Just once, I’d like to have that mean the heroine is dying of some horrible disease rather than that she needs to count on her fingers back to her last period. There has to be another way to play the realization of pregnancy.

2) In related nausea: A main character becomes so violently seasick on even a short water voyage that s/he is like to die, or simply wants to.

I don’t really understand why this one is so popular; why does there always have to be someone losing his or her cookies (all of the cookies eaten in the past year) in the background of nearly every boat ride ever? What does that add to anything? Is it meant as comic relief, as the hale and hearty companions of the nauseated one chuckle about his incapacitation and avoid his close and smelly cabin at all costs?

3) It is a truth universally acknowledged that if a party goes out to hunt boar in a book, there will be blood shed, and not just the boar’s.

It’s amazing. I have no doubt wild boar are formidable; there are tusks (tushes?) and they’re fast and there usually seem to be young boar being protected, and there’s always the added enticement for an author of describing the angry/infuriated/cold/mean/flaming little piggy eyes of the boar that attacks. It’s all very picturesque. But it’s also been done. Over and over and over. The minute anyone even simply says the word “boar” in a book, I sigh, and wait for it, and knock a star off the book’s rating, knowing for certain that the very least a dog is going to be horribly killed, but more likely it will be a named character maimed or killed. I’ve never kept track of the phenomenon; one day I would love to go through my books and make a list of fatal-and-near-fatal boar hunts. (I just read one in The Bull-Slayer a month or so ago.) It may not even be that there are dozens of them or anything – just that every single one has much the same outcome.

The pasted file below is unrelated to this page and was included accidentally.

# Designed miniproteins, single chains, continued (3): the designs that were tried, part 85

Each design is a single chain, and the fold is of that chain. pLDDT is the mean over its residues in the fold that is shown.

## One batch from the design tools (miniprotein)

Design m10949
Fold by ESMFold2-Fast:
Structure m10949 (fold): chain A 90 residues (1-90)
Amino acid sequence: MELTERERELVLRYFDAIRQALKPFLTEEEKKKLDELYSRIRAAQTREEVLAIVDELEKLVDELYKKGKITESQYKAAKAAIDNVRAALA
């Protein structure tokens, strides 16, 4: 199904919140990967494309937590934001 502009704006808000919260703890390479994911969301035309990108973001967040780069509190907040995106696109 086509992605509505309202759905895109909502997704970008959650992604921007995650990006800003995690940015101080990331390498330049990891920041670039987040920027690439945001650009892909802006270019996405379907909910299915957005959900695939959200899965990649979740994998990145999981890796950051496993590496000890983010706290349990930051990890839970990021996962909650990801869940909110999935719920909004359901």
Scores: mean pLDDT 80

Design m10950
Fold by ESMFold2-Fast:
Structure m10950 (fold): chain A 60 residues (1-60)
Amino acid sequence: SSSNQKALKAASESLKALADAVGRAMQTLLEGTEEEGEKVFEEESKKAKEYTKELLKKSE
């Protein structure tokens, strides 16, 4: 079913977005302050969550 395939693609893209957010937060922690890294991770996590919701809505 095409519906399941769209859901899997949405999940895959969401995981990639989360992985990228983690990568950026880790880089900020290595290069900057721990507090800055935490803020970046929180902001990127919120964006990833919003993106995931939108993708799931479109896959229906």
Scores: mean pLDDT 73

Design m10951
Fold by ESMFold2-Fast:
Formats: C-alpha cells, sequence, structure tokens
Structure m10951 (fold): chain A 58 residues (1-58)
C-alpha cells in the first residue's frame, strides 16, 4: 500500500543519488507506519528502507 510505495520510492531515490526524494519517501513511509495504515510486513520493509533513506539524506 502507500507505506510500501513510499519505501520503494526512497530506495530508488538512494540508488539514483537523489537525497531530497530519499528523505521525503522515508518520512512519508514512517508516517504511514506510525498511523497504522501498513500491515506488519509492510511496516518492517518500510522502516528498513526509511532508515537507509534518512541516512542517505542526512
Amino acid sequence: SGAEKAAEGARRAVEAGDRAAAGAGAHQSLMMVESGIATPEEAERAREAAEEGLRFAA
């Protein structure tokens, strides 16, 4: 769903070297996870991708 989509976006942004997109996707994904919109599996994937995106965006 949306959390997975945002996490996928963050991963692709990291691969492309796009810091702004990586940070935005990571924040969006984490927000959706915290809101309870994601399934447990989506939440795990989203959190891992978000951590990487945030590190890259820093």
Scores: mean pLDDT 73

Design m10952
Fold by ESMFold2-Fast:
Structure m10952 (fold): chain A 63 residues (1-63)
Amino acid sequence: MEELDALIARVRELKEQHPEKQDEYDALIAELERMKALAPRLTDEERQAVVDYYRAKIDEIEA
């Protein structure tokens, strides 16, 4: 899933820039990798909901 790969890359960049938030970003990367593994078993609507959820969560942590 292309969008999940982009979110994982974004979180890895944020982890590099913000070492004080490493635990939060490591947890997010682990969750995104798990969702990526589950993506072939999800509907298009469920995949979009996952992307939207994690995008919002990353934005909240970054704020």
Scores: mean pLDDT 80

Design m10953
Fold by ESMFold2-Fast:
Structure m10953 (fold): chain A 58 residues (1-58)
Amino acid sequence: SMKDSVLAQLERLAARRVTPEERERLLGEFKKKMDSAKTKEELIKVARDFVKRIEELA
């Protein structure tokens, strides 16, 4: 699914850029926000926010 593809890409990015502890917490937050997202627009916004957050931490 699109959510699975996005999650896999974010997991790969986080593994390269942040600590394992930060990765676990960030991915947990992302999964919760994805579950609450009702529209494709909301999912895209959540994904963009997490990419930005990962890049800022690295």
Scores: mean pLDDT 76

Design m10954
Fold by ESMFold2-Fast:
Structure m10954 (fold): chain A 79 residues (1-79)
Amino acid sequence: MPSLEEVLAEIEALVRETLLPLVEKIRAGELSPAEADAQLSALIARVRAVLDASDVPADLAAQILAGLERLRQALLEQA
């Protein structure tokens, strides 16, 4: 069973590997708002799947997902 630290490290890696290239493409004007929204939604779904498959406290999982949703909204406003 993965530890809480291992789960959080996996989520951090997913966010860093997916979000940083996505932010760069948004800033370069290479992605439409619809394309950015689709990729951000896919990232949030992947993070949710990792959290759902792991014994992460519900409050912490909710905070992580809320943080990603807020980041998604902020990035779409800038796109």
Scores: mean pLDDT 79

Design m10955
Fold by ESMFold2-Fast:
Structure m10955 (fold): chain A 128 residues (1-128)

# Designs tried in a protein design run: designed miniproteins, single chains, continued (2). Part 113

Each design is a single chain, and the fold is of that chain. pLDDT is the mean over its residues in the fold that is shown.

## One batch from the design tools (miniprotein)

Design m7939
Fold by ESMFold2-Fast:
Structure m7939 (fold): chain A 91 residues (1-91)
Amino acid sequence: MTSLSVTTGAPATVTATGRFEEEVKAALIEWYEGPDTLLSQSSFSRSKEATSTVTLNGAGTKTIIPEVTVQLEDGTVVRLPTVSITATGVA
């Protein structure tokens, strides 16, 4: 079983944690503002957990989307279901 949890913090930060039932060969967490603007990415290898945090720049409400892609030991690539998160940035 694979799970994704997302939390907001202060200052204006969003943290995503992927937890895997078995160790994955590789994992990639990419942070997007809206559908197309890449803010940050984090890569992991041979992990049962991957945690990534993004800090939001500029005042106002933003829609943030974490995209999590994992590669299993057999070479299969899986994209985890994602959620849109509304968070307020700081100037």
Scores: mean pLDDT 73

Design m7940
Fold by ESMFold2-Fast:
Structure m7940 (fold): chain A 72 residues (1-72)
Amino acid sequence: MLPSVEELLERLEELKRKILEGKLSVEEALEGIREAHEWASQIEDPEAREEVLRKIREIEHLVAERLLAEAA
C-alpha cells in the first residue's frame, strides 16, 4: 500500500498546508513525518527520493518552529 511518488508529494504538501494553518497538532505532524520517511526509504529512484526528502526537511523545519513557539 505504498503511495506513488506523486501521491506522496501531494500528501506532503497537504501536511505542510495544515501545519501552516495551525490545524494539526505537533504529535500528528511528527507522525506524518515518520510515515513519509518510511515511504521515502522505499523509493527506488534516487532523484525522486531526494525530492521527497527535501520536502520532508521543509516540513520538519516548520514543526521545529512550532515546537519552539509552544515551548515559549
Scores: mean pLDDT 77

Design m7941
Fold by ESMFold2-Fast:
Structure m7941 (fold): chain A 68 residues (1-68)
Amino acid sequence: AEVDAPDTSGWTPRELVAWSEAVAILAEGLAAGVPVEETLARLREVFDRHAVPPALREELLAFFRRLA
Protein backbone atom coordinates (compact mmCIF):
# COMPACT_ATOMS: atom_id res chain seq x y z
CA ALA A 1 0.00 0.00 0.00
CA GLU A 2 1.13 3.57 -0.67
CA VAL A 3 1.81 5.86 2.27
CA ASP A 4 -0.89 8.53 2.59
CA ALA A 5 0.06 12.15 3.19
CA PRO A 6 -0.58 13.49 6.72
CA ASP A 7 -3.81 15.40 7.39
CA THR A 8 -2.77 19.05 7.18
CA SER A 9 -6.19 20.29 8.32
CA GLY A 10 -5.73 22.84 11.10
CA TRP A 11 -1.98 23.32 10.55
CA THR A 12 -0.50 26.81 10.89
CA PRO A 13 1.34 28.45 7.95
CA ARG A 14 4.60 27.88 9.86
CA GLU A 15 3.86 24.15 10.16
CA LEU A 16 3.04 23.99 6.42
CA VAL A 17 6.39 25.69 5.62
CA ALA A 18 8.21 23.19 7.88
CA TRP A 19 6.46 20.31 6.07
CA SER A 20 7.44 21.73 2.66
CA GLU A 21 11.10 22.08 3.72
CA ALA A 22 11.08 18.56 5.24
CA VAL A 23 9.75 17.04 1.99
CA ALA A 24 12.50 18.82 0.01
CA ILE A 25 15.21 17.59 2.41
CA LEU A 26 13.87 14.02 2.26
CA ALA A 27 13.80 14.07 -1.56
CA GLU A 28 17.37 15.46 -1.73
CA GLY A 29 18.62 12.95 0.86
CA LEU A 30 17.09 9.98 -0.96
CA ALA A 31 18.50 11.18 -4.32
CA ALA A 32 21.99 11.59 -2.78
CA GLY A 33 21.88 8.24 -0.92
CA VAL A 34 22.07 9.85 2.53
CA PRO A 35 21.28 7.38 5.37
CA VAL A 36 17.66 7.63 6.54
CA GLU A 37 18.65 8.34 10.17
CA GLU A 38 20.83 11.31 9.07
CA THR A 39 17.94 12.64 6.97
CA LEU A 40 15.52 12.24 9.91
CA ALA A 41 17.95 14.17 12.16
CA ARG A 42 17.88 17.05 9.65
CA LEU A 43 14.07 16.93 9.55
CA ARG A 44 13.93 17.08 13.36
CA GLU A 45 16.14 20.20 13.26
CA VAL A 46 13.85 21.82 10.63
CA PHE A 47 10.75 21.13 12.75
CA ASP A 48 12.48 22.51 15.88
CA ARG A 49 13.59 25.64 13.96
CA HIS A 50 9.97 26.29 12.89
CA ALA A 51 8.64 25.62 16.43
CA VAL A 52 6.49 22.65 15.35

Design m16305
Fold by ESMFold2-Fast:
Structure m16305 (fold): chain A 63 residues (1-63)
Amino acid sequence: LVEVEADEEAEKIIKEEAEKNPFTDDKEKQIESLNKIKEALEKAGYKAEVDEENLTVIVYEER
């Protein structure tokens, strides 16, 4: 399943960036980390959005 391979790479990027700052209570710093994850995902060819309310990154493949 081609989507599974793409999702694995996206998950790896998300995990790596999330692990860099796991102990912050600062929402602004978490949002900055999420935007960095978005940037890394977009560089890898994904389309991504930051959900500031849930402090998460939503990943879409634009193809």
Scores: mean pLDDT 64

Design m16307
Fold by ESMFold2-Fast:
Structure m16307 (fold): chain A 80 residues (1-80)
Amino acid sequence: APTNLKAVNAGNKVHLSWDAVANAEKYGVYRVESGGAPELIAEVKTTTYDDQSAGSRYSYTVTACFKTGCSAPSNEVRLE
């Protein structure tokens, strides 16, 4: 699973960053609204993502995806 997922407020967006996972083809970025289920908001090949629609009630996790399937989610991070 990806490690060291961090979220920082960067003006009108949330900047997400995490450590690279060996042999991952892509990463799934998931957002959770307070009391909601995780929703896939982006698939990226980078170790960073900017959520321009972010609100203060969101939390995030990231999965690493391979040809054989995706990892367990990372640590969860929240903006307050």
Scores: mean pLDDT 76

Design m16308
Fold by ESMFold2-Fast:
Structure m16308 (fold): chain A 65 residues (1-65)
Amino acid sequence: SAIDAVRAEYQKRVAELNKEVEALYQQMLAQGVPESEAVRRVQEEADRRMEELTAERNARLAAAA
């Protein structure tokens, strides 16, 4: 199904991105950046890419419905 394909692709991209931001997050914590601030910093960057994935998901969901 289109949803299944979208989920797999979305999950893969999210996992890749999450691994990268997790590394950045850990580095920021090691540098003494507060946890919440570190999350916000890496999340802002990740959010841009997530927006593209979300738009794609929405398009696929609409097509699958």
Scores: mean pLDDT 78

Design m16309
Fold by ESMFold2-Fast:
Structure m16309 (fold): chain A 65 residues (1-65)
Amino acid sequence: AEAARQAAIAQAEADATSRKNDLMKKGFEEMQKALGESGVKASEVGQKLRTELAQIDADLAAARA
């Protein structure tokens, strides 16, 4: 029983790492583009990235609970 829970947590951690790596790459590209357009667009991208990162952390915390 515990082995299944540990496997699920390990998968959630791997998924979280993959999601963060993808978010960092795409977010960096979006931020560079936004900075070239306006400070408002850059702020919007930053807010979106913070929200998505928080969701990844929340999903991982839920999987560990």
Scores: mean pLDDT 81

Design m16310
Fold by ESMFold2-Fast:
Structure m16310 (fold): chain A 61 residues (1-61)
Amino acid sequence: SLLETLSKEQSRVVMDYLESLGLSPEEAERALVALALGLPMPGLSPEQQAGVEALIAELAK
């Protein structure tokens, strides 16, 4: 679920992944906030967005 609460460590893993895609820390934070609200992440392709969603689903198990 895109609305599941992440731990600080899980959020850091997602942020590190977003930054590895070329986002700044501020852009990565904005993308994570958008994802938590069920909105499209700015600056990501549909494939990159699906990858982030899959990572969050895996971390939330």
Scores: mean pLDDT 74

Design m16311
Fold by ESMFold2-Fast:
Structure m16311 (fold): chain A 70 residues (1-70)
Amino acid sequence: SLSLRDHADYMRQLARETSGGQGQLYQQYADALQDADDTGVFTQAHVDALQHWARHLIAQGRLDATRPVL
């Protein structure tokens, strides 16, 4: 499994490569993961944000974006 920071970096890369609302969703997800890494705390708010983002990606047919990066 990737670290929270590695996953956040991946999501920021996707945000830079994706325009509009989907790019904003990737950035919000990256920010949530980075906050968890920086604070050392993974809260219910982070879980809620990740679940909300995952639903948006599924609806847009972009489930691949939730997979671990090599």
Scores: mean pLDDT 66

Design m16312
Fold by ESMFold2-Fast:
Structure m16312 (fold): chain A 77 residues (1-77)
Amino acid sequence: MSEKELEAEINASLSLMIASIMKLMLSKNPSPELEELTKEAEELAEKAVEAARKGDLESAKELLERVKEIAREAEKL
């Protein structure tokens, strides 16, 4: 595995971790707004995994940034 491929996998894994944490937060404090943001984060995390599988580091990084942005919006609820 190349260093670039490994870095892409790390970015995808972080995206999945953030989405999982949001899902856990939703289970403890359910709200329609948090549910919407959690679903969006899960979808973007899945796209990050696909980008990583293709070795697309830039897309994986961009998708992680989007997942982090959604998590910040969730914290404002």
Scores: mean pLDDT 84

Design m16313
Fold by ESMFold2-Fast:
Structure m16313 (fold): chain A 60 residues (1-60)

There are more. I know there are more. They’ll come to me. Or, if you think of one that I forgot, please leave a comment!

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3 Responses to Why do writers keep committing clichés?

  1. tmso says:

    Interesting about the boar hunt. Frankly, I have been out boar hunting (long long time ago) and no bloodshed occurred (either from the boar or the hunters), but it was scary. Maybe, pigs are just scary? Maybe a metaphor for a more primitive human? If we were in Africa, would all our stories have monkey hunts gone bad?

    And, yes, there are hundreds of these story cliches, but I can’t think of any at the moment either. Fantasy and science fiction are full of ’em. Maybe you need to start a page…

  2. calmgrove says:

    Yes, I have moments like this most TV programmes. They are sigh tedious to watch and tedious to recount. British TV is full of moments like this: ‘Casualty’ (an A&E hospital drama my son happens to work on as grip) is unwatchable for me as the first 5 minutes are spent second-guessing who’s going to hospitalised by the accident-waiting-to-happen situation. And ‘Downton’ (I’m sure you’ve seen that in the States) is full of these stale tropes (the morning sickness one, for example, recently).

    It’s screen writing by the lazy, for the lazy.

  3. Pingback: Writing clichés redux | Stewartry